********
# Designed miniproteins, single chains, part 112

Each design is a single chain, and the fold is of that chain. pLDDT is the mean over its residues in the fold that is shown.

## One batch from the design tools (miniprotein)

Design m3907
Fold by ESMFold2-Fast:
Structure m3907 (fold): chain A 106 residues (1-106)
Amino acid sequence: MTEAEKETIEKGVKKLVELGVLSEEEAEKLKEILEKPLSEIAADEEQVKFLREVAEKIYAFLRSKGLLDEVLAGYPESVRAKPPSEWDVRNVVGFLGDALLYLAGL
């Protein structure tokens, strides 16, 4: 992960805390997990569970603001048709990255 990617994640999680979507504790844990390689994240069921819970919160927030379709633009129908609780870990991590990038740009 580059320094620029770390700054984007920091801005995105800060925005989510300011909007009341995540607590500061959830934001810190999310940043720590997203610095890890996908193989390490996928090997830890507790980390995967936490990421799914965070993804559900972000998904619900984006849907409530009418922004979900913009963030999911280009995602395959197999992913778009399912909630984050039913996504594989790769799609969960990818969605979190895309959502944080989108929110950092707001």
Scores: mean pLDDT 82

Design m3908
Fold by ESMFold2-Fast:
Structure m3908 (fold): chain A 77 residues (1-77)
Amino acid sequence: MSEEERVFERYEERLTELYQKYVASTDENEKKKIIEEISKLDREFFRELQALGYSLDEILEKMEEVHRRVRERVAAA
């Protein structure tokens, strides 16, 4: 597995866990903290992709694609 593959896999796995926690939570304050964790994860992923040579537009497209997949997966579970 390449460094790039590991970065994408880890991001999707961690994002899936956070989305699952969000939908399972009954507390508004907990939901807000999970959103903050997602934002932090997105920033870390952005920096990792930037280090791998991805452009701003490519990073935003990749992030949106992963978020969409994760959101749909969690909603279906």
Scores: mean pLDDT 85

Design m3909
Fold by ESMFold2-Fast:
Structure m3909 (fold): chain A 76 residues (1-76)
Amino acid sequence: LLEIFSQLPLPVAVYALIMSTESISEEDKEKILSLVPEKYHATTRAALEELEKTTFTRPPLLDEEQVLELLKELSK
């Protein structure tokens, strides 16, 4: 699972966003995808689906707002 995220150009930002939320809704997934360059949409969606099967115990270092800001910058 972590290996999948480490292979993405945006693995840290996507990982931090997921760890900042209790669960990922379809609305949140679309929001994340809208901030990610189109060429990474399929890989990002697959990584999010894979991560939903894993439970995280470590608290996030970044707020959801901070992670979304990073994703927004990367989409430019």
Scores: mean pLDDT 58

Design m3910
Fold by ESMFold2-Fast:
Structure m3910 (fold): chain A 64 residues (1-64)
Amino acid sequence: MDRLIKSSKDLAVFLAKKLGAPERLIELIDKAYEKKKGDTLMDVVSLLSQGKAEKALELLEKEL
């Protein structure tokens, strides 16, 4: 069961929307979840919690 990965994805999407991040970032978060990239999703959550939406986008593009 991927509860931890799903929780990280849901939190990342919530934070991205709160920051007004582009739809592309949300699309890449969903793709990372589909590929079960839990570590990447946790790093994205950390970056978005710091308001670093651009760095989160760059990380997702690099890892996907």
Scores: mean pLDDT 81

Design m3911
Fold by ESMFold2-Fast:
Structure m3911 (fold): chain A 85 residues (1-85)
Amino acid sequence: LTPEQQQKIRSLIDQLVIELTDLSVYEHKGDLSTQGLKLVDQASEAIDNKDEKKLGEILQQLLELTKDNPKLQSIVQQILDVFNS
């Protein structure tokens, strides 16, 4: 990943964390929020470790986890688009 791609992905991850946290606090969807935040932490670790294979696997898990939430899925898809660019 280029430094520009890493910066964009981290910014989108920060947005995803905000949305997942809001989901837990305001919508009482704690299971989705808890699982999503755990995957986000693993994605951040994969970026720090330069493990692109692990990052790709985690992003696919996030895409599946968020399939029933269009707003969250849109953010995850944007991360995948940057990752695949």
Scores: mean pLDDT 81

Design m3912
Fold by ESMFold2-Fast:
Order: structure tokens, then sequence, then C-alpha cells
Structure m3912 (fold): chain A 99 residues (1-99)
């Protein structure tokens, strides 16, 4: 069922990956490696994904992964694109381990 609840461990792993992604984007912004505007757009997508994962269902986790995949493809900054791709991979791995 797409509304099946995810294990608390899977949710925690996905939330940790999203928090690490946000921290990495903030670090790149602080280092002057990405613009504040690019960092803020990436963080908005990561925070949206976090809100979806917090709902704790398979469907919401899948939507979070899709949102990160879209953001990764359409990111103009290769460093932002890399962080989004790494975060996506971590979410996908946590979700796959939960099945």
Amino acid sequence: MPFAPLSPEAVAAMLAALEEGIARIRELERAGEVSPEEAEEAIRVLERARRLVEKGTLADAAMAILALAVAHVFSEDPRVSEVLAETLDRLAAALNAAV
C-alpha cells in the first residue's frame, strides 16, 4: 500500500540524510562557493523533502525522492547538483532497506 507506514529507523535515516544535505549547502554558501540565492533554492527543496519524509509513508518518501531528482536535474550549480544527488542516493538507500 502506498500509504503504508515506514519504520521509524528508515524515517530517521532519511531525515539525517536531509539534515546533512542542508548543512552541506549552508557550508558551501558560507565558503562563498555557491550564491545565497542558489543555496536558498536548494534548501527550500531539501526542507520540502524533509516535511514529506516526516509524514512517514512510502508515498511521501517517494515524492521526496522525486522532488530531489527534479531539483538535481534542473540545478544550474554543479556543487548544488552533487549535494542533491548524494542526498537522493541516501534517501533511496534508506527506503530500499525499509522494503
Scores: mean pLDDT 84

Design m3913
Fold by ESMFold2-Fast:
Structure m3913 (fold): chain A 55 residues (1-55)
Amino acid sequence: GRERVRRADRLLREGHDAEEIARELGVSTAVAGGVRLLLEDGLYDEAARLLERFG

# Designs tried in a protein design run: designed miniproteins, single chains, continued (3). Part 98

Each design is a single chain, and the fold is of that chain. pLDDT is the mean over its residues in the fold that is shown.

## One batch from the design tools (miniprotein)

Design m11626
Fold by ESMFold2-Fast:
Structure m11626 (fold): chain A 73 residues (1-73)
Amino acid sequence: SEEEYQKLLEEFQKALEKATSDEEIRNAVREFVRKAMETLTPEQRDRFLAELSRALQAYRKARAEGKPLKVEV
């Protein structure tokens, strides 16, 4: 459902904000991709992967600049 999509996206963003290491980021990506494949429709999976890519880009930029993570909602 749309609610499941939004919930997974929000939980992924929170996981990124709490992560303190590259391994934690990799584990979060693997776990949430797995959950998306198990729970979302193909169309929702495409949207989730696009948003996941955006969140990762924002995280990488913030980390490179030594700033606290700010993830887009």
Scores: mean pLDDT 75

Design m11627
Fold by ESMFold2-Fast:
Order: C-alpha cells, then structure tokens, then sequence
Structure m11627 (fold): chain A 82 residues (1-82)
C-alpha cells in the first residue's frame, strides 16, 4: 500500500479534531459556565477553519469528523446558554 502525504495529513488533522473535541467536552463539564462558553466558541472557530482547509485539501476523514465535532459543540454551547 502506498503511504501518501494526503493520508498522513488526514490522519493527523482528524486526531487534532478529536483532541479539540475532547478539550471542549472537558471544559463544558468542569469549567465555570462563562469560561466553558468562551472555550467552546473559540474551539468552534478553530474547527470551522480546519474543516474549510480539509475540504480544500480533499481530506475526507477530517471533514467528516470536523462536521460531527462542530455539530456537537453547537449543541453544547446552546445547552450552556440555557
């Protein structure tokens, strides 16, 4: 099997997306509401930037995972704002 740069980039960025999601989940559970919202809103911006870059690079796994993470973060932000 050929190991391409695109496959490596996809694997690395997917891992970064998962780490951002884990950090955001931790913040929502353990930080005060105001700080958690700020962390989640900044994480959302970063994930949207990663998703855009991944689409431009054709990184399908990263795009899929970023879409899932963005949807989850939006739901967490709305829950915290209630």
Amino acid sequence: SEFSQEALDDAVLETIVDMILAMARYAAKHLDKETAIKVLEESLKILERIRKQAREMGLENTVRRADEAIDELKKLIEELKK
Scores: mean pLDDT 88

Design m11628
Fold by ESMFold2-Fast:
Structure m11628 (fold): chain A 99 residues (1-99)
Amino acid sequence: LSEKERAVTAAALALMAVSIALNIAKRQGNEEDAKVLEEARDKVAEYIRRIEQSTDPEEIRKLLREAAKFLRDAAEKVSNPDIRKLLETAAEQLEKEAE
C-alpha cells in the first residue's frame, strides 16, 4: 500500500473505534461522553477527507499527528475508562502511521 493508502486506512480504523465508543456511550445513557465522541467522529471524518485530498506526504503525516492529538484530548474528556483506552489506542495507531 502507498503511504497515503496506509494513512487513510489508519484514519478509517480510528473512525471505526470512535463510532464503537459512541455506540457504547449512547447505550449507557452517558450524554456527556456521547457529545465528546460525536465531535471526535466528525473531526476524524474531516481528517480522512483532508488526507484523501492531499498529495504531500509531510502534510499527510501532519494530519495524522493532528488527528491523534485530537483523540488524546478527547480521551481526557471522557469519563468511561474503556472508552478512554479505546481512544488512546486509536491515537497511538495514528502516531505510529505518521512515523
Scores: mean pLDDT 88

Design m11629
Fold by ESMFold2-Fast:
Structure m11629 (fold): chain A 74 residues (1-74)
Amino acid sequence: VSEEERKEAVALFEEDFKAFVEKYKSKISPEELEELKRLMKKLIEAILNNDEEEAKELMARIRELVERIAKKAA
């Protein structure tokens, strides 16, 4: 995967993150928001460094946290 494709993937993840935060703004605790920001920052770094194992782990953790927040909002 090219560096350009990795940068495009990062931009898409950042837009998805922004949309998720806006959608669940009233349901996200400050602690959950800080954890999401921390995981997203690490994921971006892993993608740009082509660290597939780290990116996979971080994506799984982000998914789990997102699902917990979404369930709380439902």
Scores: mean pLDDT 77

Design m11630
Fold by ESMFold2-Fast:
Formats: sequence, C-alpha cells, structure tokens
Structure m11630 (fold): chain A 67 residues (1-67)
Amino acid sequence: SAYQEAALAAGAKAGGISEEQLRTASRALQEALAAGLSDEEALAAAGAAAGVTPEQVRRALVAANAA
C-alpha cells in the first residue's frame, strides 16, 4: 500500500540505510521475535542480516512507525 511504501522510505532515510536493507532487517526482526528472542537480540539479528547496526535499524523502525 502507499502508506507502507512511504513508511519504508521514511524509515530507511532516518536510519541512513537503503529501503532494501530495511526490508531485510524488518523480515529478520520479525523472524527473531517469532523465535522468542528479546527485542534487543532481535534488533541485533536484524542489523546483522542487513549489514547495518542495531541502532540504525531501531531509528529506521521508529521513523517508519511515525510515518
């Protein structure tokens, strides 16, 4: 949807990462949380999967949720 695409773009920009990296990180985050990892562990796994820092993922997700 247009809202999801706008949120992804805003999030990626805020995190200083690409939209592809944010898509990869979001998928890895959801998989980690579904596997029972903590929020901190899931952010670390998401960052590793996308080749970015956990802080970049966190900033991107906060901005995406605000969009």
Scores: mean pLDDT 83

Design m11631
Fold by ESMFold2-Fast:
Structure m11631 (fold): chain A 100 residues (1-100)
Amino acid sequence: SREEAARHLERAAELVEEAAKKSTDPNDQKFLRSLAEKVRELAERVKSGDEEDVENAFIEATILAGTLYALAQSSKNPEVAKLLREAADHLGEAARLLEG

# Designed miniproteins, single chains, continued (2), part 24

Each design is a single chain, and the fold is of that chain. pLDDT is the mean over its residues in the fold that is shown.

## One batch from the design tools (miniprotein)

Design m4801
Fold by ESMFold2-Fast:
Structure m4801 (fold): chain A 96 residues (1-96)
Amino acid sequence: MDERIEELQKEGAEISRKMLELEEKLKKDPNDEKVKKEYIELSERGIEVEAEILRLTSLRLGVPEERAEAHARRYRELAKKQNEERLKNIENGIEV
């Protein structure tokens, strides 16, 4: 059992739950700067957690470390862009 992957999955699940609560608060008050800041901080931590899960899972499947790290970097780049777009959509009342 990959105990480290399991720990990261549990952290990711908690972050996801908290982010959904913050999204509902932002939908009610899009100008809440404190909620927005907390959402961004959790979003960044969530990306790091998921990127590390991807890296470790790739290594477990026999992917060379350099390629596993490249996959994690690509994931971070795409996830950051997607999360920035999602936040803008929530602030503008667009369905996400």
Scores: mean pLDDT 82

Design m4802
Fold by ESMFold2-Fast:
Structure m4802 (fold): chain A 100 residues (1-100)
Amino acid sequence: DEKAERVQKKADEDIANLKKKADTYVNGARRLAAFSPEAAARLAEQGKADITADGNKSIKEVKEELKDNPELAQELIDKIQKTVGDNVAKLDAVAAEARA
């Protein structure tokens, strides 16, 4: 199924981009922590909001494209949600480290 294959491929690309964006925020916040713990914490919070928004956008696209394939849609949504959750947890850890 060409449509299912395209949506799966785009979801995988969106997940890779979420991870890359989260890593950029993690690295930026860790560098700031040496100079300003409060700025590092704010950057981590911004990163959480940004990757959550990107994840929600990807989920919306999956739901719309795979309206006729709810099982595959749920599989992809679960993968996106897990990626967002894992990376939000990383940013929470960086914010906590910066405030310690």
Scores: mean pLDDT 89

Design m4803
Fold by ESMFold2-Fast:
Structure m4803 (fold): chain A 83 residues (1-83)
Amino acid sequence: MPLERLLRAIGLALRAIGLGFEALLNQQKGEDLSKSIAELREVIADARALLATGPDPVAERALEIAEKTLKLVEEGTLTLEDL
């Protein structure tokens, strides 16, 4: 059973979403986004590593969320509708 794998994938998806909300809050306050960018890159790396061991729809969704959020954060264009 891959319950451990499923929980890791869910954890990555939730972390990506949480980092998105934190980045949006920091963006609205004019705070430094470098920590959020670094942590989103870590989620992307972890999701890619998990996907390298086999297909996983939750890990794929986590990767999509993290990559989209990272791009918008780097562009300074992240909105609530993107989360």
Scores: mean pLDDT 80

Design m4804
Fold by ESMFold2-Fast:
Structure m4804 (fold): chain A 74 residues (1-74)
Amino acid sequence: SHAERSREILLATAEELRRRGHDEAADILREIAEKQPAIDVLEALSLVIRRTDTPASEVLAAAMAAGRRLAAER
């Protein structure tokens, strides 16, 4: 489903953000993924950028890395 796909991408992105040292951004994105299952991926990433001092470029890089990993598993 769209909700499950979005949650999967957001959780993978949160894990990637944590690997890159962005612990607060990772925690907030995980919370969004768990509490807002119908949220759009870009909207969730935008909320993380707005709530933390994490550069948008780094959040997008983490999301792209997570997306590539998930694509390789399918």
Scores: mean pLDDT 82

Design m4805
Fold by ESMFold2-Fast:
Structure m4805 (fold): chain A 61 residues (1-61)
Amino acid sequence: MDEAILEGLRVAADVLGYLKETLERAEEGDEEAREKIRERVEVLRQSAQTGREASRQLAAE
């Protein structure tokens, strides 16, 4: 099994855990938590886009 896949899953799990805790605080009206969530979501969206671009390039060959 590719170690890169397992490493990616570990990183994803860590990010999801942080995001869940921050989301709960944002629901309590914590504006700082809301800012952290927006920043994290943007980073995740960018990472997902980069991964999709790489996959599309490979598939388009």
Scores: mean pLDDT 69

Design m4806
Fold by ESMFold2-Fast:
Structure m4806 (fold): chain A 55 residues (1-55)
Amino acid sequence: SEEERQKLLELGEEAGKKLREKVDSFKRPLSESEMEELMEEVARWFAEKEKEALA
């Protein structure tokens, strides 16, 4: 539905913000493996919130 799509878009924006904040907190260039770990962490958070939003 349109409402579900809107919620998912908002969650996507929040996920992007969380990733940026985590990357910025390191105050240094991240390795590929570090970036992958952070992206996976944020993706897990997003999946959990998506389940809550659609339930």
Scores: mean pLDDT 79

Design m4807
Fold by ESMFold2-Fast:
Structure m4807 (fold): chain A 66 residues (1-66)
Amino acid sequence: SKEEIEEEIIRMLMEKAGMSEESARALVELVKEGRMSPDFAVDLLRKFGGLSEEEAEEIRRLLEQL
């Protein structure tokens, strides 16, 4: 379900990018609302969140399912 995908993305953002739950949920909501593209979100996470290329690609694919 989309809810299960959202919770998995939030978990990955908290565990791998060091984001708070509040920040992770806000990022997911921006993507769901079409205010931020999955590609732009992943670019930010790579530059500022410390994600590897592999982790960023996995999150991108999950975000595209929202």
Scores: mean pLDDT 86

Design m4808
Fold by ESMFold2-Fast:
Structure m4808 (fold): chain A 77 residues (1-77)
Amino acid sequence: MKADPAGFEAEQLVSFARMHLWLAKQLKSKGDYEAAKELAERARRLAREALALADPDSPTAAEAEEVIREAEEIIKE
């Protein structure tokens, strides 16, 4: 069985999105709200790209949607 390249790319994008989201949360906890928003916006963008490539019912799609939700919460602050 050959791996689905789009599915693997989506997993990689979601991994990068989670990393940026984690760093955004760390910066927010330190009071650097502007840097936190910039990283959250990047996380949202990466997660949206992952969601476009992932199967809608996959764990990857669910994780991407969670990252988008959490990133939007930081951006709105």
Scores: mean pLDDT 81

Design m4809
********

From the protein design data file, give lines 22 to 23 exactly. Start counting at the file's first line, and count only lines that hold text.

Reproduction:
Design m3910
Fold by ESMFold2-Fast: